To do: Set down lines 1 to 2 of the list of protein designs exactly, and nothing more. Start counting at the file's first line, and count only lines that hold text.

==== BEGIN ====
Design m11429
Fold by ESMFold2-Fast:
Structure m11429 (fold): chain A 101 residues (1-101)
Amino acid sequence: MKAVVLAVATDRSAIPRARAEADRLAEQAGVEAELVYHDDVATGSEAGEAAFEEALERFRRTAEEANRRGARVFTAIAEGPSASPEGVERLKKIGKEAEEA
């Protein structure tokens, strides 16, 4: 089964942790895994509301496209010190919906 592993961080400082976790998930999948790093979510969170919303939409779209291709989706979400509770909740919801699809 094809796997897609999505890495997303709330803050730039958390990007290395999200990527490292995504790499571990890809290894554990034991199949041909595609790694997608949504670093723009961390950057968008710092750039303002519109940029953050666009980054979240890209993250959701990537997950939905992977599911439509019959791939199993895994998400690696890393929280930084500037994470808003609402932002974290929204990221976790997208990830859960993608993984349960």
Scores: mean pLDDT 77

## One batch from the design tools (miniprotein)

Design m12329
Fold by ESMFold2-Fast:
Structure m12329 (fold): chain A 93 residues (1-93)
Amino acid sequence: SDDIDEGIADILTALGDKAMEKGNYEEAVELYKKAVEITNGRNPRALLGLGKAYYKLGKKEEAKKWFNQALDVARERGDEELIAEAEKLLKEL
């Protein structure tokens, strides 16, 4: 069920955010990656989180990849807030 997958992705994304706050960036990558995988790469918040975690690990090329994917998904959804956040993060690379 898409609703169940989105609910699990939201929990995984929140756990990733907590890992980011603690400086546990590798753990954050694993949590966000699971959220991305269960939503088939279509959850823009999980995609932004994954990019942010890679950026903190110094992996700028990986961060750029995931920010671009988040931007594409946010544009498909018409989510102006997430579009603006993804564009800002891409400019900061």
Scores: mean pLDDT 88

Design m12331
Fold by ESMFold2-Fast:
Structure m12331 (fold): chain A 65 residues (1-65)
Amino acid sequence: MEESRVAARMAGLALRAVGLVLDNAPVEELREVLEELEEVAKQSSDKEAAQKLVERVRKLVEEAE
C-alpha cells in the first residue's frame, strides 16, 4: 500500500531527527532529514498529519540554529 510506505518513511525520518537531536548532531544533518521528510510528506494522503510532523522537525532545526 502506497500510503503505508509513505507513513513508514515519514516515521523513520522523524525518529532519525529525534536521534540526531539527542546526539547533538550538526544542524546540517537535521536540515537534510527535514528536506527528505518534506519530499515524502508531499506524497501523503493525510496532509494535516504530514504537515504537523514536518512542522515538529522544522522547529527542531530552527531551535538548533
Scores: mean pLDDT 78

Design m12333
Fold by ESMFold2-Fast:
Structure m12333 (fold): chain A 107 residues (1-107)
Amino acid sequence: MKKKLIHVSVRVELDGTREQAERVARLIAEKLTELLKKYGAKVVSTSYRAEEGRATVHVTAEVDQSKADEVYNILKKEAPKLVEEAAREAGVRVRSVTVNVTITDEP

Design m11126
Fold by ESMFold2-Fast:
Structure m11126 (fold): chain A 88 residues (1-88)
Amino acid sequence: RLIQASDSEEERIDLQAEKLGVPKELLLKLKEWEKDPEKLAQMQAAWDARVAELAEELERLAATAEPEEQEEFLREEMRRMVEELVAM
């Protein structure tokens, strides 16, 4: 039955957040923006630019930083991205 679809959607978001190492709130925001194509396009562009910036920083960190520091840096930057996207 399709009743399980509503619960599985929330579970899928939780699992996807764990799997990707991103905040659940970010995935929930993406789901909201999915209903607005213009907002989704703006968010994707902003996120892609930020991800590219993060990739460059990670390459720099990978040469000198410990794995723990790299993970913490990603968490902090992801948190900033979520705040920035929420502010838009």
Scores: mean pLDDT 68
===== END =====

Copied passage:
Design m11429
Fold by ESMFold2-Fast: